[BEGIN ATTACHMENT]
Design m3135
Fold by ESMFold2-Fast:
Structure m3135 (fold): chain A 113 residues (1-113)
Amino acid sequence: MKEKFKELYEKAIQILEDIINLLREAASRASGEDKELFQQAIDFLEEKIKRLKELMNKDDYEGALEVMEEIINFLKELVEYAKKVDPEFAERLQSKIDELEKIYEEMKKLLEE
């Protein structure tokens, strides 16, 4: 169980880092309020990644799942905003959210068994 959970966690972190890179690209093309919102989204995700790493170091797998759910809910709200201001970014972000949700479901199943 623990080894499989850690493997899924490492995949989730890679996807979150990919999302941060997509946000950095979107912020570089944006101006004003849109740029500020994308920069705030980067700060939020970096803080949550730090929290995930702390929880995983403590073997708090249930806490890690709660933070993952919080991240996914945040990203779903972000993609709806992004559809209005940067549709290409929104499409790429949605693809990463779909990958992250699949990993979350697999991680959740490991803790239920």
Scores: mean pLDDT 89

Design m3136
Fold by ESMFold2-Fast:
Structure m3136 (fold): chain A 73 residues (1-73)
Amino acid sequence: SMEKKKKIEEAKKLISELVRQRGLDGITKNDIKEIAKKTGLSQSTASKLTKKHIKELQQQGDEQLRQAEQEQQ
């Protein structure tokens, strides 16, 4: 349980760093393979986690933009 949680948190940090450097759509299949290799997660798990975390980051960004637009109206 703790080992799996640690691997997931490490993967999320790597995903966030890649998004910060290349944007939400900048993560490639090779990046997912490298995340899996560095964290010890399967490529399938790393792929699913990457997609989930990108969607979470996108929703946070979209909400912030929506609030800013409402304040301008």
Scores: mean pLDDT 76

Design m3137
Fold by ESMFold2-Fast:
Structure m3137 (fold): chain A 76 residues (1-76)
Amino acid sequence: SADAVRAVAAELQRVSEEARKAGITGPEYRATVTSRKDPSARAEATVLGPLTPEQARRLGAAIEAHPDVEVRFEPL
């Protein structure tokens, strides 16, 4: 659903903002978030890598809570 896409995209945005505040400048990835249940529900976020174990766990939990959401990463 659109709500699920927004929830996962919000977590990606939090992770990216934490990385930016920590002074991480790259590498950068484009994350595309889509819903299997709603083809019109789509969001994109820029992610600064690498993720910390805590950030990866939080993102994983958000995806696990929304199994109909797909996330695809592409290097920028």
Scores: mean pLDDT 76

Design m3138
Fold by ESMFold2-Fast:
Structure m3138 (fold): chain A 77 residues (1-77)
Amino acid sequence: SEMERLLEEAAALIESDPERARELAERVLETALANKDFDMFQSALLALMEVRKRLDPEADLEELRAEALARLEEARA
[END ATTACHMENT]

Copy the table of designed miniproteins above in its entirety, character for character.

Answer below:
Design m3135
Fold by ESMFold2-Fast:
Structure m3135 (fold): chain A 113 residues (1-113)
Amino acid sequence: MKEKFKELYEKAIQILEDIINLLREAASRASGEDKELFQQAIDFLEEKIKRLKELMNKDDYEGALEVMEEIINFLKELVEYAKKVDPEFAERLQSKIDELEKIYEEMKKLLEE
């Protein structure tokens, strides 16, 4: 169980880092309020990644799942905003959210068994 959970966690972190890179690209093309919102989204995700790493170091797998759910809910709200201001970014972000949700479901199943 623990080894499989850690493997899924490492995949989730890679996807979150990919999302941060997509946000950095979107912020570089944006101006004003849109740029500020994308920069705030980067700060939020970096803080949550730090929290995930702390929880995983403590073997708090249930806490890690709660933070993952919080991240996914945040990203779903972000993609709806992004559809209005940067549709290409929104499409790429949605693809990463779909990958992250699949990993979350697999991680959740490991803790239920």
Scores: mean pLDDT 89

Design m3136
Fold by ESMFold2-Fast:
Structure m3136 (fold): chain A 73 residues (1-73)
Amino acid sequence: SMEKKKKIEEAKKLISELVRQRGLDGITKNDIKEIAKKTGLSQSTASKLTKKHIKELQQQGDEQLRQAEQEQQ
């Protein structure tokens, strides 16, 4: 349980760093393979986690933009 949680948190940090450097759509299949290799997660798990975390980051960004637009109206 703790080992799996640690691997997931490490993967999320790597995903966030890649998004910060290349944007939400900048993560490639090779990046997912490298995340899996560095964290010890399967490529399938790393792929699913990457997609989930990108969607979470996108929703946070979209909400912030929506609030800013409402304040301008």
Scores: mean pLDDT 76

Design m3137
Fold by ESMFold2-Fast:
Structure m3137 (fold): chain A 76 residues (1-76)
Amino acid sequence: SADAVRAVAAELQRVSEEARKAGITGPEYRATVTSRKDPSARAEATVLGPLTPEQARRLGAAIEAHPDVEVRFEPL
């Protein structure tokens, strides 16, 4: 659903903002978030890598809570 896409995209945005505040400048990835249940529900976020174990766990939990959401990463 659109709500699920927004929830996962919000977590990606939090992770990216934490990385930016920590002074991480790259590498950068484009994350595309889509819903299997709603083809019109789509969001994109820029992610600064690498993720910390805590950030990866939080993102994983958000995806696990929304199994109909797909996330695809592409290097920028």
Scores: mean pLDDT 76

Design m3138
Fold by ESMFold2-Fast:
Structure m3138 (fold): chain A 77 residues (1-77)
Amino acid sequence: SEMERLLEEAAALIESDPERARELAERVLETALANKDFDMFQSALLALMEVRKRLDPEADLEELRAEALARLEEARA